If we make the value of h small enough we get a good approximation to the integral, and we have our approximate solution, using integration of the derivative function. To find the approximation at another time step, h, into the future, we simply repeat the procedure, using y*(t₀+h).

$${y^*}\left( {{t_0} + 2h} \right) = {y^*}\left( {{t_0} + h} \right) + f\left( {{y^*}\left( {{t_0} + h} \right),{t_0}} \right)h$$

and so on

$${y^*}\left( {{t_0} + (n + 1)h} \right) = {y^*}\left( {{t_0} + nh} \right) + f\left( {{y^*}\left( {{t_0} + nh} \right),{t_0}} \right)h$$

It turns out that this method is not very accurate (using more complex integration algorithms, something like the trapezoid rule, would be better). These are the higher order methods, discussed later.

Why Would we want an Approximate Solution?

Many equations can be solved analytically using a variety of mathematical tools, but often we would like to get a computer generated approximation to the solution. The reasons for this are many. We may have a first order differential equation (with initial condition at t₀. such as:

$${a_0}{{{d^2}y(t)} \over {d{t^2}}} + {a_1}{{dy(t)} \over {dt}} + {a_2}y(t) = f\left( t \right), \quad \quad \quad {\rm{with\;}} y(t_0)=y_0$$

that we wish to solve for y(t). While this is easily solved using the Laplace Transform (or other methods), we may wish to solve it for a wide variety of coefficients a₀, a1, a2, or for different initial conditions. Or you may need to solve it in real time for an input, g(t), that is not known in advance. Likewise you may have a non-linear problem like a Van der Pol oscillator

$${{{d^2}y(t)} \over {d{t^2}}} + \left( {1 - {y^2}(t)} \right){{dy(t)} \over {dt}} + y(t) = 0$$

for which there is no analytic solution. In these cases, an approximate solution obtained via computer is attractive and, perhaps, necessary.

The techniques discussed in these pages approximate the solution of first order ordinary differential equations of the form

$${{dy(t)} \over {dt}} = y'(t) = f(y(t),t)$$

In other words, problems where the derivative of our solution at time t, y(t), is dependent on that solution and t (i.e., y'(t)=f(y(t),t)). This may seem very restrictive, but it is often straightforward to convert a higher order equation like the ones given previously to this type of problem. For example, given the equation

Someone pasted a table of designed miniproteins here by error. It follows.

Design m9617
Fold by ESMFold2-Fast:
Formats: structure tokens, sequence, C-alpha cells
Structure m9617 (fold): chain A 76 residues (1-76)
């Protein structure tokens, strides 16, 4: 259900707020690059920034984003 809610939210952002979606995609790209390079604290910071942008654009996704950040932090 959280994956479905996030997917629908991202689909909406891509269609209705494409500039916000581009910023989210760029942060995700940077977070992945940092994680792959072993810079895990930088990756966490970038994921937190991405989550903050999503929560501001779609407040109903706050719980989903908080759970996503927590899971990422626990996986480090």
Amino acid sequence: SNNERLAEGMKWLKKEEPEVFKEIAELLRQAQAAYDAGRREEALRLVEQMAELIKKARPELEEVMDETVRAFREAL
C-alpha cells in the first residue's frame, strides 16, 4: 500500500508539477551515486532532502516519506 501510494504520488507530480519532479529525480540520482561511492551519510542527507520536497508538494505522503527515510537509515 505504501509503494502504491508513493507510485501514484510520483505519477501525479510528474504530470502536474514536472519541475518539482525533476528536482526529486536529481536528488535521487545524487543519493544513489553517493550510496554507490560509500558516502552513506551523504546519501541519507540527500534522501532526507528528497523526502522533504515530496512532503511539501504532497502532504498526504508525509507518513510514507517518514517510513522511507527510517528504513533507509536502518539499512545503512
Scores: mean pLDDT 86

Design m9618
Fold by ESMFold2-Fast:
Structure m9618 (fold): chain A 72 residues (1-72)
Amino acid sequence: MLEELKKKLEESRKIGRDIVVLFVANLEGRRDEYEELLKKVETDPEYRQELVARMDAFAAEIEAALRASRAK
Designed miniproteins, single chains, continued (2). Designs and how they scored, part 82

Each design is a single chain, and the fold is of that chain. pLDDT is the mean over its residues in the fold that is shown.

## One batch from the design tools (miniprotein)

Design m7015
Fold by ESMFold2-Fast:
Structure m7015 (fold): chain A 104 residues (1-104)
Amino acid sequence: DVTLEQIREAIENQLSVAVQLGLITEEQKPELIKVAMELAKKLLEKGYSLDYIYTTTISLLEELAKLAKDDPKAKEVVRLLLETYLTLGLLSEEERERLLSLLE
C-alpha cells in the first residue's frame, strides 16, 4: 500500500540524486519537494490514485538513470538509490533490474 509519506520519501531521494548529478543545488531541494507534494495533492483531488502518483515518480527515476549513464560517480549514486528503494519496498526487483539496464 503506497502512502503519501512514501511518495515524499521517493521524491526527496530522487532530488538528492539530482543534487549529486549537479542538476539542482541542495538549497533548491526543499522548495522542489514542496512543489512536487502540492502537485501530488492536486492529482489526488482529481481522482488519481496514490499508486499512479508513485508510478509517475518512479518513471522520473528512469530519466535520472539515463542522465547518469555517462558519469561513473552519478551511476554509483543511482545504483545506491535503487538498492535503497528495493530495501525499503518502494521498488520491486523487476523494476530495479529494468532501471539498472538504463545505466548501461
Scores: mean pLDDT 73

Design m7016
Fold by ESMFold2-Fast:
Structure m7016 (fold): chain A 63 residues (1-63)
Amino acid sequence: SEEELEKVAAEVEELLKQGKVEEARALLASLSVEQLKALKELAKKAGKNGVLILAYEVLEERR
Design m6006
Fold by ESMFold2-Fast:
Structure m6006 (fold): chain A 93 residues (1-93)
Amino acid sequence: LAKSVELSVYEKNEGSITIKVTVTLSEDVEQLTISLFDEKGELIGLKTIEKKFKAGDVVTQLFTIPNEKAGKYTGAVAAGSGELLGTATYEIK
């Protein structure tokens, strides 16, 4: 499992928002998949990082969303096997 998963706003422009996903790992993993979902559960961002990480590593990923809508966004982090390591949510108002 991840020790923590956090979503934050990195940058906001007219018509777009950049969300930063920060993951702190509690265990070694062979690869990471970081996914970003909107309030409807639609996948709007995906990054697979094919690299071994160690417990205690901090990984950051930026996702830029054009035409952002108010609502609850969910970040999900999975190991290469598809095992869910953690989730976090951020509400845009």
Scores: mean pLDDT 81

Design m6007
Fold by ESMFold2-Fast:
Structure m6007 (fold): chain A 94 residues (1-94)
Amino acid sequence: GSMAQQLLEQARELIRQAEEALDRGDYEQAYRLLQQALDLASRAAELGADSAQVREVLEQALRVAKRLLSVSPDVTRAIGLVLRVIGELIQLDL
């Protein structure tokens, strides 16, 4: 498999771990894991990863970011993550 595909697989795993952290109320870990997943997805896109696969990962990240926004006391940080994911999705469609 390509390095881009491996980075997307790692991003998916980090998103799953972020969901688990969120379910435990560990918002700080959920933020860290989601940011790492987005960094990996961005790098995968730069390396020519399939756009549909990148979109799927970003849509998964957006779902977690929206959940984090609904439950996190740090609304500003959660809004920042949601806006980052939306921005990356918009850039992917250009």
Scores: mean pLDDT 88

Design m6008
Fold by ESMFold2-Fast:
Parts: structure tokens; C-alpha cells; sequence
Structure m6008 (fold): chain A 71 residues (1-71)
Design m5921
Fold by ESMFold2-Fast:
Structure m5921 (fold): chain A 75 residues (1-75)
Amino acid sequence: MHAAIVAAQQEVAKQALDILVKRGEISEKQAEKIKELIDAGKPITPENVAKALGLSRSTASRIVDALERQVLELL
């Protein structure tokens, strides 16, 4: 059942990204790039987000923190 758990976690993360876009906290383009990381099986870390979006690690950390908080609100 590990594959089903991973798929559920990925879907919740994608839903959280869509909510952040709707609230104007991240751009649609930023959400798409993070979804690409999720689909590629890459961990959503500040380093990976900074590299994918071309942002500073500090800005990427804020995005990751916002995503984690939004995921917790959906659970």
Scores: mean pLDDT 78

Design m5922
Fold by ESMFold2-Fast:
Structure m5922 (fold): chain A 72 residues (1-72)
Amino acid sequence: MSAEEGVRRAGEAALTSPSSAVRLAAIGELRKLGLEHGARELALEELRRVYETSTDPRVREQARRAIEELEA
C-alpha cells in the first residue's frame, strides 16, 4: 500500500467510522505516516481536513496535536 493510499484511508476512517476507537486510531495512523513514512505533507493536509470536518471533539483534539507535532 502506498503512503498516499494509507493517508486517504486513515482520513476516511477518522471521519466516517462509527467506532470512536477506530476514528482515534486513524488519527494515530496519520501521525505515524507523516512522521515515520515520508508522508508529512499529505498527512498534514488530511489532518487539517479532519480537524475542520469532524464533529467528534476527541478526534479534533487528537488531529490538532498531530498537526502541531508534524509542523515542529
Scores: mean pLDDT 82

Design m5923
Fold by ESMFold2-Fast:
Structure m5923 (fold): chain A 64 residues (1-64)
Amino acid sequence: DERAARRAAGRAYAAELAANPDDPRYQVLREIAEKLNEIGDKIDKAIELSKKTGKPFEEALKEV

$${{dy(t)} \over {dt}} = y'\left( t \right) = f(y(t),t)$$

we can declare two new variables (state variables) q1(t) and q2(t) such that

{q_1}(t) &= y(t) \cr
{q_2}(t) &= {{dy(t)} \over {dt}} \cr
&{\rm{so}} \cr
{{d{q_1}(t)} \over {dt}} &= {{dy(t)} \over {dt}} \cr
{{d{q_2}(t)} \over {dt}} &= {{{d^2}y(t)} \over {d{t^2}}} = - {{{a_1}} \over {{a_0}}}{{dy(t)} \over {dt}} - {{{a_2}} \over {{a_0}}}y(t) + {1 \over {{a_0}}}g\left( t \right) \cr
&{\rm{or}} \cr
{{d{q_1}(t)} \over {dt}} &= {q_2}(t) \cr
{{d{q_2}(t)} \over {dt}} &= - {{{a_1}} \over {{a_0}}}{q_2}(t) - {{{a_2}} \over {{a_0}}}{q_1}(t) + {1 \over {{a_0}}}g\left( t \right) \cr} $$

Now for each of the state variables we have a problem of the specified type, a single derivative on the left, and functions of time (and perhaps the state variable on the right).

We can also use the same technique to rewrite the Van der Pol oscillator equation as couple first order equations

{{d{q_1}(t)} \over {dt}} &= {{dy(t)} \over {dt}} \cr
{{d{q_2}(t)} \over {dt}}&= {{{d^2}y(t)} \over {d{t^2}}} = - \left( {1 - {y^2}(t)} \right){{dy(t)} \over {dt}} - y(t) \cr
&{\rm{or}} \cr
{{d{q_1}(t)} \over {dt}} &= {q_2}(t) \cr
{{d{q_2}(t)} \over {dt}} &= - \left( {1 - {q_1}^2(t)} \right){q_2}(t) - {q_1}(t) \cr} $$

Moving On

To learn more, and see some numerical examples (with MATLAB solutions), go to the next page.


© Copyright 2005 to 2015 Erik Cheever    This page may be freely used for educational purposes.

Erik Cheever       Department of Engineering         Swarthmore College